Super Rad Light Painting by Dennis Calvert

It's been quite a while since I've last seen cool light paintings. After a while, it became too much of the same, and the lack of creativity made this technique fade for some time. That until now. Dennis Calvert have just revived it. Well, at least for me. This guy really knows how to experiment, go further and innovate. Grab your leds, your fireworks and go do art. That's probably the advice he would give you, right? These are super rad indeed! For more of Dennis Calvert light painting photography, visit his page at DeviantART. He'll appreciate it very much! I hope you enjoy these. Cheers! ;)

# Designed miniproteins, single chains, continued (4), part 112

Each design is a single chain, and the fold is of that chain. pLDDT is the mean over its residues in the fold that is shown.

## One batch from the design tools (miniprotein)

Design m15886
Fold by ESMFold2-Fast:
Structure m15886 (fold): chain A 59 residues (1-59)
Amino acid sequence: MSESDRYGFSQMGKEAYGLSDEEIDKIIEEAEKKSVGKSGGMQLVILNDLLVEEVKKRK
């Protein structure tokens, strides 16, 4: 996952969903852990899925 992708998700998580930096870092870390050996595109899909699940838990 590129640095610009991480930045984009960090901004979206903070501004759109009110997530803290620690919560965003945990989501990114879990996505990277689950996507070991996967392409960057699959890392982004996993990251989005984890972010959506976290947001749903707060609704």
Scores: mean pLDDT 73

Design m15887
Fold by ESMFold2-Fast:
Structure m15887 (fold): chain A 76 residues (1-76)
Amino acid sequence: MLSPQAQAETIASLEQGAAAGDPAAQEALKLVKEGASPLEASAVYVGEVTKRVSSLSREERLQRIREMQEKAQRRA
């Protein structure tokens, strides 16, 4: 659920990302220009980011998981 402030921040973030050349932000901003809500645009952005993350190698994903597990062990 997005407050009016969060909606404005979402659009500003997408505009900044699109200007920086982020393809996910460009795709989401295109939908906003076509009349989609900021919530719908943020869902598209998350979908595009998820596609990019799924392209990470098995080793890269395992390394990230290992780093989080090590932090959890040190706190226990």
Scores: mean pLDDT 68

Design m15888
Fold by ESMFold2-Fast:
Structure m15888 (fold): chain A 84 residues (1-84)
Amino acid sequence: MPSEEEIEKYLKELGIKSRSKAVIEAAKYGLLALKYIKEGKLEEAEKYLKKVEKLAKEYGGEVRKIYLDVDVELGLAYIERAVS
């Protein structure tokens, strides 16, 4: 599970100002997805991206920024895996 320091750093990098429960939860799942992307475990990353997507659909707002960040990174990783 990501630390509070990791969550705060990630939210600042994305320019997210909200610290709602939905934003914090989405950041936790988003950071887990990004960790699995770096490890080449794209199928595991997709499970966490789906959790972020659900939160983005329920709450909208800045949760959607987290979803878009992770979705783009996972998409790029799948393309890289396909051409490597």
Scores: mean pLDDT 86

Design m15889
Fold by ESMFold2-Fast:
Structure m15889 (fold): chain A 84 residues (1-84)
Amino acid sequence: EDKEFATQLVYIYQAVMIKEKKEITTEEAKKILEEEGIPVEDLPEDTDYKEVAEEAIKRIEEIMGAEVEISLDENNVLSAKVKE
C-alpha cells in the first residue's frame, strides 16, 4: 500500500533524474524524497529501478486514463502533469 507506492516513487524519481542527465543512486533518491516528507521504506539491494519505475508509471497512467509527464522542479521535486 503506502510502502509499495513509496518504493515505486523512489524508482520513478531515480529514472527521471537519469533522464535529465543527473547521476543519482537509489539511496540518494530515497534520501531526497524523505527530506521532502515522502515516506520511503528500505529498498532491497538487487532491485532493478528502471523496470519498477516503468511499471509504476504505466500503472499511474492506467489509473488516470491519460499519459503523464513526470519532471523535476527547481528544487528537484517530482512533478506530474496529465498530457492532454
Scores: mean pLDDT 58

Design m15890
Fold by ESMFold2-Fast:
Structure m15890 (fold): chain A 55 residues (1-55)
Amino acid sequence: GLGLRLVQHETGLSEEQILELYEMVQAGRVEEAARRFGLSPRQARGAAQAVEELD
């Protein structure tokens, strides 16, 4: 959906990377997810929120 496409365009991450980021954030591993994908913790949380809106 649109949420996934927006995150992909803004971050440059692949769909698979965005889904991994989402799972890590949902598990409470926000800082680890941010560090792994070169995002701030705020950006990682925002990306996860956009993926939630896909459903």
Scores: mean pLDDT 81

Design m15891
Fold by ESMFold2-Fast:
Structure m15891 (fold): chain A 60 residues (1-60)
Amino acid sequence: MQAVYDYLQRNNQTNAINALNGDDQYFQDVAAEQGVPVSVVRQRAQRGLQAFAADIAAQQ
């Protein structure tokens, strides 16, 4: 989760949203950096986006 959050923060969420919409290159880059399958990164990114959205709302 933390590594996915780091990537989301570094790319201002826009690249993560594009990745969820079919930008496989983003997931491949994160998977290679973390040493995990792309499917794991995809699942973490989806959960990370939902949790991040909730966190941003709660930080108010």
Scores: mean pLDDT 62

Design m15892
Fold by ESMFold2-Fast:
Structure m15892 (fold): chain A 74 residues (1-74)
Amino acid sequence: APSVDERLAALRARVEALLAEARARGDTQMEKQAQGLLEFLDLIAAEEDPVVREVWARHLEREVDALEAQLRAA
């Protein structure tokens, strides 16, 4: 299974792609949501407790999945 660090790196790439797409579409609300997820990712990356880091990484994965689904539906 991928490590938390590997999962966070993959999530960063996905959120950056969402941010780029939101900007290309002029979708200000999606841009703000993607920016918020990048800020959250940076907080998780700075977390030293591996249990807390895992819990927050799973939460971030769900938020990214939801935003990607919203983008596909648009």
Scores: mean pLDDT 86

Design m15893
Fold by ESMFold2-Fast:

Extreme Light Painting by Janne Parviainen

Some may say Light Painting is really overused nowadays and that's true, it's a really simple and impressive technique and there's a lot of photographers using it. However, I like to think that besides being really overused, someone will always try to bring this technique into a whole new level. And Janne Parviainen definetely did that. I really don't know how he creates this light skeletons and human shapes, must be micro fibers or wires maybe. It's a big mystery, what turns his photography in something more artistic and quite unique. You can see more of his light paintings at this Flickr.

Light Painting Guide by Christopher Hibbert